Research Article: Development of New Tuberculosis Vaccines: A Global Perspective on Regulatory Issues

Date Published: August 7, 2007

Publisher: Public Library of Science

Author(s): Michael J Brennan, Uli Fruth, Julie Milstien, Rosemary Tiernan, Sergio de Andrade Nishioka, Liliana Chocarro

Abstract: What are the regulatory challenges for testing and introducing investigative TB vaccines into countries where the disease is endemic?

Partial Text: In May 2005, the TB Vaccine Initiative of the World Health Organization (WHO) Initiative for Vaccine Research convened a working meeting of regulators, investigators, and clinicians from developing and developed countries involved in tuberculosis (TB) vaccine regulation and research (see Text S1 for a list of participants). The purpose of the meeting was to specifically discuss the regulatory challenges for testing and introducing investigative TB vaccines into countries where the disease is endemic.

As new vaccines are developed for TB and other infectious diseases that have an enormous impact on developing countries, clarification of the regulatory issues surrounding the development and possible licensure of these vaccines is becoming increasingly important.

An effective vaccine to both prevent TB and reduce its transmission is urgently needed because of the complexities surrounding the diagnosis, management, and treatment of TB, coinfection with TB and HIV, and challenges related to the treatment of drug-resistant Mycobacterium tuberculosis strains. Fortunately, several new TB vaccine candidates have been identified and a few have been formulated into vaccine products that are currently in phase I or II clinical trials [1,2]. A summary of first-generation TB vaccines currently in clinical trials and the next generation of TB candidate vaccines in various stages of development is provided in Table 1.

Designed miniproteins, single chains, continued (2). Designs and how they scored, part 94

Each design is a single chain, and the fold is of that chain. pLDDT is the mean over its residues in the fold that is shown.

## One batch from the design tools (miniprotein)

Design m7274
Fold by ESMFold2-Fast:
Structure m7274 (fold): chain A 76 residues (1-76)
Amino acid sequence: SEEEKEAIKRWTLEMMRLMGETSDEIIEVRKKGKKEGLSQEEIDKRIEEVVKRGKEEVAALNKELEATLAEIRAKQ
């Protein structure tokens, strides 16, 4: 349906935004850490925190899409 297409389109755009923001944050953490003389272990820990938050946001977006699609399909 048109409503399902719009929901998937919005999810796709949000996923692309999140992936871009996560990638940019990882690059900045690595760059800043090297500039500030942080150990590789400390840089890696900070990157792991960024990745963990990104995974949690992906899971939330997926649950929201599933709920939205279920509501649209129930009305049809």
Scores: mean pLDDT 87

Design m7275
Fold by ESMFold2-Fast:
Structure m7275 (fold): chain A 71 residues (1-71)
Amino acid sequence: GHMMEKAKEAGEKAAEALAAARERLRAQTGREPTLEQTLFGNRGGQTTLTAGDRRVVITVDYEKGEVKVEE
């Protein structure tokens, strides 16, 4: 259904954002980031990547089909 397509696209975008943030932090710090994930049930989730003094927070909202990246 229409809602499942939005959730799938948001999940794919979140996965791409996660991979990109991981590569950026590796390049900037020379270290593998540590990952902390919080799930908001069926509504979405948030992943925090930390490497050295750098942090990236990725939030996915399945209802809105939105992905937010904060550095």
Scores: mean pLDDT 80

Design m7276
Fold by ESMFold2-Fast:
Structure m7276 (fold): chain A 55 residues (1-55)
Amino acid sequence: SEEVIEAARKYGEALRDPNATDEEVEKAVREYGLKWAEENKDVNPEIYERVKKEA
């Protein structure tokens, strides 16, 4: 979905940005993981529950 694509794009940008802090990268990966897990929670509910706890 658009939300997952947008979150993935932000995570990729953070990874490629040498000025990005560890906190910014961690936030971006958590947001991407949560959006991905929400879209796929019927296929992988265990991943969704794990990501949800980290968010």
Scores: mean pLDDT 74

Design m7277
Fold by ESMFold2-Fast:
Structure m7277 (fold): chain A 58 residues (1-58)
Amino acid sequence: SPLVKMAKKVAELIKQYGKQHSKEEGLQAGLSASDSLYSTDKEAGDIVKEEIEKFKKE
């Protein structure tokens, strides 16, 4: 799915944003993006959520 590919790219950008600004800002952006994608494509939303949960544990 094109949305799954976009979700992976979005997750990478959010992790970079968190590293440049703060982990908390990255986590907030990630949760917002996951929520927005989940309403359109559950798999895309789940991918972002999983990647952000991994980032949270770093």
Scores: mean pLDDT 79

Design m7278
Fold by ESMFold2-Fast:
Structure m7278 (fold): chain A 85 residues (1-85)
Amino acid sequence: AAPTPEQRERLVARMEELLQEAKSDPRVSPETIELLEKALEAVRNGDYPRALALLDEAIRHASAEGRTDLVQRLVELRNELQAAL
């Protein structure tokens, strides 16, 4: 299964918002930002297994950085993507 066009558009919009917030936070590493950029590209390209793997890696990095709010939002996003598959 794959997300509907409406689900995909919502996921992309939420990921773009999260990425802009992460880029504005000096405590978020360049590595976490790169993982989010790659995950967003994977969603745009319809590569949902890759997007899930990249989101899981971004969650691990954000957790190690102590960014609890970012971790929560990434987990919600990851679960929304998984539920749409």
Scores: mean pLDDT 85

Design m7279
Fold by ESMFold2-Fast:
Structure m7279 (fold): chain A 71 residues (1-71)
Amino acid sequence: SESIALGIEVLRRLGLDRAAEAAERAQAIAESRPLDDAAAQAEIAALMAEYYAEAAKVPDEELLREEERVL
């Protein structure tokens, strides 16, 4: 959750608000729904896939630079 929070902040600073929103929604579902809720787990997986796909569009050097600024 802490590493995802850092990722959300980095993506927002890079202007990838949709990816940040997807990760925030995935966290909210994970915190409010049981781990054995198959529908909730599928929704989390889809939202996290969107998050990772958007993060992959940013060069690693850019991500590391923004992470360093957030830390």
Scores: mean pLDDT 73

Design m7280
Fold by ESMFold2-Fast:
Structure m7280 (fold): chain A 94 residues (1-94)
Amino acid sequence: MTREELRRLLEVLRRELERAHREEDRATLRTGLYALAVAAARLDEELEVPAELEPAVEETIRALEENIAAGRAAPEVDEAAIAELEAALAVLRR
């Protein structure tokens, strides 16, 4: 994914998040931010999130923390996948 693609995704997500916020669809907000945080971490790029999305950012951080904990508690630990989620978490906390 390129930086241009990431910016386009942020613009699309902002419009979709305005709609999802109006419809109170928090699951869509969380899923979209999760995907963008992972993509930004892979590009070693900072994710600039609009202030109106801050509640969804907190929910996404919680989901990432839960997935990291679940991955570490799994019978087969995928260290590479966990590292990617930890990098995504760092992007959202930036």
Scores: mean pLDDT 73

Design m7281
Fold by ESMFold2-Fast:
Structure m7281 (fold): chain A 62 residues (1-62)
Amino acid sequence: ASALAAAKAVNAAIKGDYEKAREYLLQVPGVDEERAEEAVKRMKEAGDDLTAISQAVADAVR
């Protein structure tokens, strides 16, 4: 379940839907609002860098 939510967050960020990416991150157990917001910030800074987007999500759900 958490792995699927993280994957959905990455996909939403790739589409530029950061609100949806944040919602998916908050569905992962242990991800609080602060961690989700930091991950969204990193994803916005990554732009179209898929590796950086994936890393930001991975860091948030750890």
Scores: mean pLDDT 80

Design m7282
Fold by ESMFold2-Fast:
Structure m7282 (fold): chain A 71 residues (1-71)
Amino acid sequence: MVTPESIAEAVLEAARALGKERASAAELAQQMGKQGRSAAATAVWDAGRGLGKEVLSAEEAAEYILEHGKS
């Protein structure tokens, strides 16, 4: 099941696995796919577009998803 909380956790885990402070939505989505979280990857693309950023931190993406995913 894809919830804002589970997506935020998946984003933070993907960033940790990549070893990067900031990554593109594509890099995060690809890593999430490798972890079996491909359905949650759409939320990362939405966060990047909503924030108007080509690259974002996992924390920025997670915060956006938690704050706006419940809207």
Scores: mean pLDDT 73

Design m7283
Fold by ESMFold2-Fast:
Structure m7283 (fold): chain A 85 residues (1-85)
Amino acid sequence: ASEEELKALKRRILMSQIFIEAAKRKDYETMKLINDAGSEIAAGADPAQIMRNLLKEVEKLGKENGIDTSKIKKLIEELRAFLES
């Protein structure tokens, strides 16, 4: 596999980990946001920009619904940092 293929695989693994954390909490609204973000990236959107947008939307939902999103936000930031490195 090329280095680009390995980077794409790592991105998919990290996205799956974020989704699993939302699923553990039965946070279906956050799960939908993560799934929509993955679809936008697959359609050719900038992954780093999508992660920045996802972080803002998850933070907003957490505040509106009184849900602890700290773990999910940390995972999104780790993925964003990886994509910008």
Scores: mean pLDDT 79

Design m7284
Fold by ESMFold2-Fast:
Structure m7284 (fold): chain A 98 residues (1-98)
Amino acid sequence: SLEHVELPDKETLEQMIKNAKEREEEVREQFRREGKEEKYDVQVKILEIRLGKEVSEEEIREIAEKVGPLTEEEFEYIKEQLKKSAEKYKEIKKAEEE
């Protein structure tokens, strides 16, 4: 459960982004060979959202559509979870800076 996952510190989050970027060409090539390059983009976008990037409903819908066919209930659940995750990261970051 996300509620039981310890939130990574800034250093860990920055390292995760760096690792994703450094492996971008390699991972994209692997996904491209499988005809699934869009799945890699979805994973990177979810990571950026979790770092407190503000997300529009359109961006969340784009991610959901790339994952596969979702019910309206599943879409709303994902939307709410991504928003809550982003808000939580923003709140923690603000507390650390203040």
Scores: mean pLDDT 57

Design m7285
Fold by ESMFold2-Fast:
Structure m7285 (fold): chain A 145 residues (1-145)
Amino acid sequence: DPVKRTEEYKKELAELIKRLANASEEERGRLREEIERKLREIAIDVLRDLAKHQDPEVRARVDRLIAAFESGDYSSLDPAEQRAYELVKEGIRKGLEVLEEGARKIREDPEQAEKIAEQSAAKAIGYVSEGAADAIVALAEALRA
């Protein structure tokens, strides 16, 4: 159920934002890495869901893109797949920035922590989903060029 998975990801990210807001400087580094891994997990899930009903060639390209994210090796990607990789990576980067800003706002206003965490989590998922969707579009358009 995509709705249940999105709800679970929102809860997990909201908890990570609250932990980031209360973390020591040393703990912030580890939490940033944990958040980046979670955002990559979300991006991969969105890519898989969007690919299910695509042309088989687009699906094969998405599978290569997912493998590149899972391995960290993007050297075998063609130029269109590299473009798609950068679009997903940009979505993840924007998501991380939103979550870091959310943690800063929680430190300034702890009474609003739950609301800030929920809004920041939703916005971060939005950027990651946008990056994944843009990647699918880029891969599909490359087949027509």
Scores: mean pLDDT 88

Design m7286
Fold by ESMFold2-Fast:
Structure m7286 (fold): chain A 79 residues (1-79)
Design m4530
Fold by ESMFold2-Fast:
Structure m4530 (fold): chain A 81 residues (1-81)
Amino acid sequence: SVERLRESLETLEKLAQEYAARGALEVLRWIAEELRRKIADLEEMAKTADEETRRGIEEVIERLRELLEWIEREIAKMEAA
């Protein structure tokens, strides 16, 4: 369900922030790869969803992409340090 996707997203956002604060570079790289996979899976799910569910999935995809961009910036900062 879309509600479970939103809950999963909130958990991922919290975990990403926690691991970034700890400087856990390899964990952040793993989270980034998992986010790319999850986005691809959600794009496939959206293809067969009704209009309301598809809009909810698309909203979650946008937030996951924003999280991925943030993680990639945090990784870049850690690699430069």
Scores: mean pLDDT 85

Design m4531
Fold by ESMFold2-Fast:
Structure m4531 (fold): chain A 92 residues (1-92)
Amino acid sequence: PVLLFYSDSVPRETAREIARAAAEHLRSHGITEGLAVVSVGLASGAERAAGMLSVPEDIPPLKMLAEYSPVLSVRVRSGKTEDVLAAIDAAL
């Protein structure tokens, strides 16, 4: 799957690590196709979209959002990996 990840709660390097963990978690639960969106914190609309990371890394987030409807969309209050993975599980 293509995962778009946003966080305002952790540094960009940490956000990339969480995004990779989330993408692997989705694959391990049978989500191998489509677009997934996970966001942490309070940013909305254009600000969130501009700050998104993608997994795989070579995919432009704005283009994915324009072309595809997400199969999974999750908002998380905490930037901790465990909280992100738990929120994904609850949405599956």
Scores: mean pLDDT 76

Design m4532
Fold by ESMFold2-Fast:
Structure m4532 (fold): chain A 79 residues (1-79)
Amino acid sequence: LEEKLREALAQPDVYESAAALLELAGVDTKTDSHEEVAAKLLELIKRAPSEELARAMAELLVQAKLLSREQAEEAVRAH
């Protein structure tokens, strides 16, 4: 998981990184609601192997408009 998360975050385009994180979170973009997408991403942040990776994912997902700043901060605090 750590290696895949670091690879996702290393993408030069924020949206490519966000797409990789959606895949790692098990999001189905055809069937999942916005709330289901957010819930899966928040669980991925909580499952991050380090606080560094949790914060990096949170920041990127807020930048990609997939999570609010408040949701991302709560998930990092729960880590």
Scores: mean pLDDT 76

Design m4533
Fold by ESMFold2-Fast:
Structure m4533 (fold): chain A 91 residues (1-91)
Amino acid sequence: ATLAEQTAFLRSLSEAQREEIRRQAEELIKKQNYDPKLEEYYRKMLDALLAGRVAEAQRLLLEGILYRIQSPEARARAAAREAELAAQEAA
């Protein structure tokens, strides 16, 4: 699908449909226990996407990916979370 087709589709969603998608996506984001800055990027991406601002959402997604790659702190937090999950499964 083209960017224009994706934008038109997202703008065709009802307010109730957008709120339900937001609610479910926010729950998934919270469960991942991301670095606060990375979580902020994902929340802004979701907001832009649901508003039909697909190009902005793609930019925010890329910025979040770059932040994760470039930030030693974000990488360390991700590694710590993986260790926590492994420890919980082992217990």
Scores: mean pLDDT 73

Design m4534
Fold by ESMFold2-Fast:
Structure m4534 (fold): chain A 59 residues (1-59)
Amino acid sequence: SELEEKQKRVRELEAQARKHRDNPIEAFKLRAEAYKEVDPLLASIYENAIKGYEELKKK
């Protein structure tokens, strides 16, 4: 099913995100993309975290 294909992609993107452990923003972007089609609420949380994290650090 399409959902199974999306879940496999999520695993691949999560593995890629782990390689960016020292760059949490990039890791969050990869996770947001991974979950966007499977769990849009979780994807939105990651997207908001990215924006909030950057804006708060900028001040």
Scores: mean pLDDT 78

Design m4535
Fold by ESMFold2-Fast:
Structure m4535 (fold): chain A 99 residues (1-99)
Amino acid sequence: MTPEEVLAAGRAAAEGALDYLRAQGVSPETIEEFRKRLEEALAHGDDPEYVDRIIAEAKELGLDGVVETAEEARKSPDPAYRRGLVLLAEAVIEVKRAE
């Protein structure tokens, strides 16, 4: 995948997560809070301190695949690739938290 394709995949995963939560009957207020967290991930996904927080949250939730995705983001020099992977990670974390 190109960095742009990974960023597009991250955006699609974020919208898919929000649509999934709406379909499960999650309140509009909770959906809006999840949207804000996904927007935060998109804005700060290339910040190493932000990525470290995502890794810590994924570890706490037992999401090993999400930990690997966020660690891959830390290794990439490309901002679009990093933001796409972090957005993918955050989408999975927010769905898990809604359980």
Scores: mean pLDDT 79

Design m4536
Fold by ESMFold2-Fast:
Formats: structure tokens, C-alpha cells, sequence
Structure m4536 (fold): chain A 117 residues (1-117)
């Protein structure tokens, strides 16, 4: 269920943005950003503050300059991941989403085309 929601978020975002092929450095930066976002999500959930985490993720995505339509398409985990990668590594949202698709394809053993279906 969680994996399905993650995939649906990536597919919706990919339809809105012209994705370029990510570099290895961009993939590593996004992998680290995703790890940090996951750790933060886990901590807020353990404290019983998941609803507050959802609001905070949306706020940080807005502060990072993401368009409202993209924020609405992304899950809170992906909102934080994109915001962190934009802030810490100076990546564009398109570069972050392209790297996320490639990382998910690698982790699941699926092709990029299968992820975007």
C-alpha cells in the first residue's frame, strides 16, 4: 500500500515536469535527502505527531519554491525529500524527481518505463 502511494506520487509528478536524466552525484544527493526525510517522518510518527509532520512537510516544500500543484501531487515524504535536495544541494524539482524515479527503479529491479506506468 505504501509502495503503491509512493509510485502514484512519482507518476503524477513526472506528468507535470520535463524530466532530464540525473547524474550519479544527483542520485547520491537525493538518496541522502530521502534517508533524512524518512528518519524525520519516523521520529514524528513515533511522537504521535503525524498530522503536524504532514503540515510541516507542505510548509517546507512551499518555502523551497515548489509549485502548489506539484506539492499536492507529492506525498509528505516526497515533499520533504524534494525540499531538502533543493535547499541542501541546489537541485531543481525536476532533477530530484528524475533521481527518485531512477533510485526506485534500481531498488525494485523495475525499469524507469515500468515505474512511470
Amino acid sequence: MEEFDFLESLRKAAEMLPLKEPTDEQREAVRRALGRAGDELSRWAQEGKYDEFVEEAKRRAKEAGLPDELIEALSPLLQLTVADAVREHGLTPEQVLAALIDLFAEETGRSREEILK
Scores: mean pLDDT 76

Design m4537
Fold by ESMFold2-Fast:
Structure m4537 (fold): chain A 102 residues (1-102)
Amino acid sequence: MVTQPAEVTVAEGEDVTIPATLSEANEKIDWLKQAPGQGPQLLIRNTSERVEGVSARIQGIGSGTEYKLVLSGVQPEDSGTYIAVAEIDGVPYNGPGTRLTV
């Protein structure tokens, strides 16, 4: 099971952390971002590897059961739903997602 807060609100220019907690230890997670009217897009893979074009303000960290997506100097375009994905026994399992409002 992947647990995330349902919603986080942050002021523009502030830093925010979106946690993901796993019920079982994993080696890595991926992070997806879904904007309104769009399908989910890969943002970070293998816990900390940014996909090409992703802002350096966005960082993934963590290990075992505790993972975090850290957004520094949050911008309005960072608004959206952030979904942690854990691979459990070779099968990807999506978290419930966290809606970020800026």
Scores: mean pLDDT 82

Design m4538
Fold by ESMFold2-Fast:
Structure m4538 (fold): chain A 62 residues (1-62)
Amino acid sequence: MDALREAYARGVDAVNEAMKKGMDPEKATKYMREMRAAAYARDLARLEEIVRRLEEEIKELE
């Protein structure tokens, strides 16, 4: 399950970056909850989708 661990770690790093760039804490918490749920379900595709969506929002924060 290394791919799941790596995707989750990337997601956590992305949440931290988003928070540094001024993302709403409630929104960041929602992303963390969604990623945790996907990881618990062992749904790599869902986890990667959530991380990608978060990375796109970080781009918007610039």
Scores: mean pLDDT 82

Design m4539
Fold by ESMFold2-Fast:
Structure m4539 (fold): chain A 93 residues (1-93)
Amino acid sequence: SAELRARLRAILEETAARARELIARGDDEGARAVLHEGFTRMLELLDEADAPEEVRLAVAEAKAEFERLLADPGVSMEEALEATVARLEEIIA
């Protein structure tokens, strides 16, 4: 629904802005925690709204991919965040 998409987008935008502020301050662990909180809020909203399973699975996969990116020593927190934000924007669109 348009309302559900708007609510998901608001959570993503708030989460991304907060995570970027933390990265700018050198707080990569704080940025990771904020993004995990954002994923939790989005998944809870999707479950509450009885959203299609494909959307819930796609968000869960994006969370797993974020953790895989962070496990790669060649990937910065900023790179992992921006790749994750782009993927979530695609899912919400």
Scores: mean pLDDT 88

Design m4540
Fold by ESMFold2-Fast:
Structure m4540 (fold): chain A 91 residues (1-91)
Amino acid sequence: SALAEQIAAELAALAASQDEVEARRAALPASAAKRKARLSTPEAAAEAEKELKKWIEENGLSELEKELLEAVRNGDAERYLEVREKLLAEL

To date there is no clear global regulatory pathway for new TB vaccine candidates; thus there is an urgent need to develop a “regulatory plan” prior to the start of phase III trials, which are just a few years away. Many of the regulatory issues to be addressed are in highly technical areas, such as characterization of the product using GMP, where the US Food and Drug Administration (FDA) and the European Agency for the Evaluation of Medicinal Products (EMEA) have vast experience. Experienced regulatory agencies, such as the FDA and EMEA, can contribute to the process by: (1) reviewing investigational new drug submissions for vaccines undergoing clinical trials (FDA) or (2) providing a scientific opinion for vaccines manufactured in Europe for use in developing countries but not in the European market (EMEA). In addition, the FDA and EMEA may work with individual national regulatory authorities or with networks of regulators in the regions, and/or provide experts to global or regional panels advising on vaccine safety and efficacy issues as well as on clinical trial protocols.

Source:

http://doi.org/10.1371/journal.pmed.0040252

 

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